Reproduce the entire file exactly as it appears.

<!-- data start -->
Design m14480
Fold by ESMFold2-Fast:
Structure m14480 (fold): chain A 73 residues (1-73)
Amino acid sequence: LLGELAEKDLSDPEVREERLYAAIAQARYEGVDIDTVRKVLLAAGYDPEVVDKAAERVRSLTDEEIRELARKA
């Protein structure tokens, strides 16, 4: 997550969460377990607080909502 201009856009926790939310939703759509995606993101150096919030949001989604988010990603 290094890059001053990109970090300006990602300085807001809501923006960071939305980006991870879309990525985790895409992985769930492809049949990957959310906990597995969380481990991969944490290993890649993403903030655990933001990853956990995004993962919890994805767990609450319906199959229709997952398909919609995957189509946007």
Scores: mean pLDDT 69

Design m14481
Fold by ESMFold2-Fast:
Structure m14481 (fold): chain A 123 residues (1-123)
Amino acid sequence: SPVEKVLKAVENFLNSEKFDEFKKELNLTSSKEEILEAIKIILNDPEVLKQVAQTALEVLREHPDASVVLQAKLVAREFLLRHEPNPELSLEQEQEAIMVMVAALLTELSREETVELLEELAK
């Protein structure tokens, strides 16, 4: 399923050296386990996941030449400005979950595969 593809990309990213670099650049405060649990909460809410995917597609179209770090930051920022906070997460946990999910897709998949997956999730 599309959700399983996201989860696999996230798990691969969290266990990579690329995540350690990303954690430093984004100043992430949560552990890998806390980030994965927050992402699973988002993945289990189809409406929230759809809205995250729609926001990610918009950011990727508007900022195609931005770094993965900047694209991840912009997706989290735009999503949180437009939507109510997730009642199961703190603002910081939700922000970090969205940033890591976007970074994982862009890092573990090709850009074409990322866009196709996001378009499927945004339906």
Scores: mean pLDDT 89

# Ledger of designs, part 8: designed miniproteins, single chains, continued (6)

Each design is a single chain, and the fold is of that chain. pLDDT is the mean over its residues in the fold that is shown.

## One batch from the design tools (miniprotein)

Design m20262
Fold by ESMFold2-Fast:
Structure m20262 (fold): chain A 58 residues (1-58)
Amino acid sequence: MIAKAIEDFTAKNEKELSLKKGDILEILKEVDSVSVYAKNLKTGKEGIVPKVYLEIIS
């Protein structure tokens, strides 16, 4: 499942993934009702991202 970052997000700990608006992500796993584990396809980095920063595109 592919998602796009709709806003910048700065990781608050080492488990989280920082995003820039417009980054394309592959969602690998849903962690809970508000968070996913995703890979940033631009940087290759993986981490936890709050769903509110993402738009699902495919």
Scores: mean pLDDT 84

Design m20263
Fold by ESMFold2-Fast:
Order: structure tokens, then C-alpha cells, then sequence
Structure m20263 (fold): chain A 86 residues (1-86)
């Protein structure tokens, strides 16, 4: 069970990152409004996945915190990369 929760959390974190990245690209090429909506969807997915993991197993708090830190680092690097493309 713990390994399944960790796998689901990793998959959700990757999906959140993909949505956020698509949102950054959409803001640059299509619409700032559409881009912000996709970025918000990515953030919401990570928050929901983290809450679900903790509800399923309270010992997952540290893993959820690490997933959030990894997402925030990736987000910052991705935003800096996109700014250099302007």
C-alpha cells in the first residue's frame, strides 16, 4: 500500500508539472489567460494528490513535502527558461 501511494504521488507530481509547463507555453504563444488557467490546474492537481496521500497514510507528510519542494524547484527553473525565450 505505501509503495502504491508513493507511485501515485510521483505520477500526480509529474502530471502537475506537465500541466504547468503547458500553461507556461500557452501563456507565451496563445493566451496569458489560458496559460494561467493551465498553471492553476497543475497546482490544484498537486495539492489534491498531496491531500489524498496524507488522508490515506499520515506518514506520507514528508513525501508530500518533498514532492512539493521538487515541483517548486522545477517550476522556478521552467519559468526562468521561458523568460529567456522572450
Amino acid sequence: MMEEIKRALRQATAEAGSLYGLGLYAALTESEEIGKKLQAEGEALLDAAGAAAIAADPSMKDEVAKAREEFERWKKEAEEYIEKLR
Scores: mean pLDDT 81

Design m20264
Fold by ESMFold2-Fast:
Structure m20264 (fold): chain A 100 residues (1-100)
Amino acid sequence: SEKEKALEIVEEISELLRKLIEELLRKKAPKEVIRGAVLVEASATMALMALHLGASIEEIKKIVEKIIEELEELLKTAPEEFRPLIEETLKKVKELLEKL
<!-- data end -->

Design m14480
Fold by ESMFold2-Fast:
Structure m14480 (fold): chain A 73 residues (1-73)
Amino acid sequence: LLGELAEKDLSDPEVREERLYAAIAQARYEGVDIDTVRKVLLAAGYDPEVVDKAAERVRSLTDEEIRELARKA
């Protein structure tokens, strides 16, 4: 997550969460377990607080909502 201009856009926790939310939703759509995606993101150096919030949001989604988010990603 290094890059001053990109970090300006990602300085807001809501923006960071939305980006991870879309990525985790895409992985769930492809049949990957959310906990597995969380481990991969944490290993890649993403903030655990933001990853956990995004993962919890994805767990609450319906199959229709997952398909919609995957189509946007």
Scores: mean pLDDT 69

Design m14481
Fold by ESMFold2-Fast:
Structure m14481 (fold): chain A 123 residues (1-123)
Amino acid sequence: SPVEKVLKAVENFLNSEKFDEFKKELNLTSSKEEILEAIKIILNDPEVLKQVAQTALEVLREHPDASVVLQAKLVAREFLLRHEPNPELSLEQEQEAIMVMVAALLTELSREETVELLEELAK
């Protein structure tokens, strides 16, 4: 399923050296386990996941030449400005979950595969 593809990309990213670099650049405060649990909460809410995917597609179209770090930051920022906070997460946990999910897709998949997956999730 599309959700399983996201989860696999996230798990691969969290266990990579690329995540350690990303954690430093984004100043992430949560552990890998806390980030994965927050992402699973988002993945289990189809409406929230759809809205995250729609926001990610918009950011990727508007900022195609931005770094993965900047694209991840912009997706989290735009999503949180437009939507109510997730009642199961703190603002910081939700922000970090969205940033890591976007970074994982862009890092573990090709850009074409990322866009196709996001378009499927945004339906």
Scores: mean pLDDT 89

# Ledger of designs, part 8: designed miniproteins, single chains, continued (6)

Each design is a single chain, and the fold is of that chain. pLDDT is the mean over its residues in the fold that is shown.

## One batch from the design tools (miniprotein)

Design m20262
Fold by ESMFold2-Fast:
Structure m20262 (fold): chain A 58 residues (1-58)
Amino acid sequence: MIAKAIEDFTAKNEKELSLKKGDILEILKEVDSVSVYAKNLKTGKEGIVPKVYLEIIS
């Protein structure tokens, strides 16, 4: 499942993934009702991202 970052997000700990608006992500796993584990396809980095920063595109 592919998602796009709709806003910048700065990781608050080492488990989280920082995003820039417009980054394309592959969602690998849903962690809970508000968070996913995703890979940033631009940087290759993986981490936890709050769903509110993402738009699902495919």
Scores: mean pLDDT 84

Design m20263
Fold by ESMFold2-Fast:
Order: structure tokens, then C-alpha cells, then sequence
Structure m20263 (fold): chain A 86 residues (1-86)
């Protein structure tokens, strides 16, 4: 069970990152409004996945915190990369 929760959390974190990245690209090429909506969807997915993991197993708090830190680092690097493309 713990390994399944960790796998689901990793998959959700990757999906959140993909949505956020698509949102950054959409803001640059299509619409700032559409881009912000996709970025918000990515953030919401990570928050929901983290809450679900903790509800399923309270010992997952540290893993959820690490997933959030990894997402925030990736987000910052991705935003800096996109700014250099302007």
C-alpha cells in the first residue's frame, strides 16, 4: 500500500508539472489567460494528490513535502527558461 501511494504521488507530481509547463507555453504563444488557467490546474492537481496521500497514510507528510519542494524547484527553473525565450 505505501509503495502504491508513493507511485501515485510521483505520477500526480509529474502530471502537475506537465500541466504547468503547458500553461507556461500557452501563456507565451496563445493566451496569458489560458496559460494561467493551465498553471492553476497543475497546482490544484498537486495539492489534491498531496491531500489524498496524507488522508490515506499520515506518514506520507514528508513525501508530500518533498514532492512539493521538487515541483517548486522545477517550476522556478521552467519559468526562468521561458523568460529567456522572450
Amino acid sequence: MMEEIKRALRQATAEAGSLYGLGLYAALTESEEIGKKLQAEGEALLDAAGAAAIAADPSMKDEVAKAREEFERWKKEAEEYIEKLR
Scores: mean pLDDT 81

Design m20264
Fold by ESMFold2-Fast:
Structure m20264 (fold): chain A 100 residues (1-100)
Amino acid sequence: SEKEKALEIVEEISELLRKLIEELLRKKAPKEVIRGAVLVEASATMALMALHLGASIEEIKKIVEKIIEELEELLKTAPEEFRPLIEETLKKVKELLEKL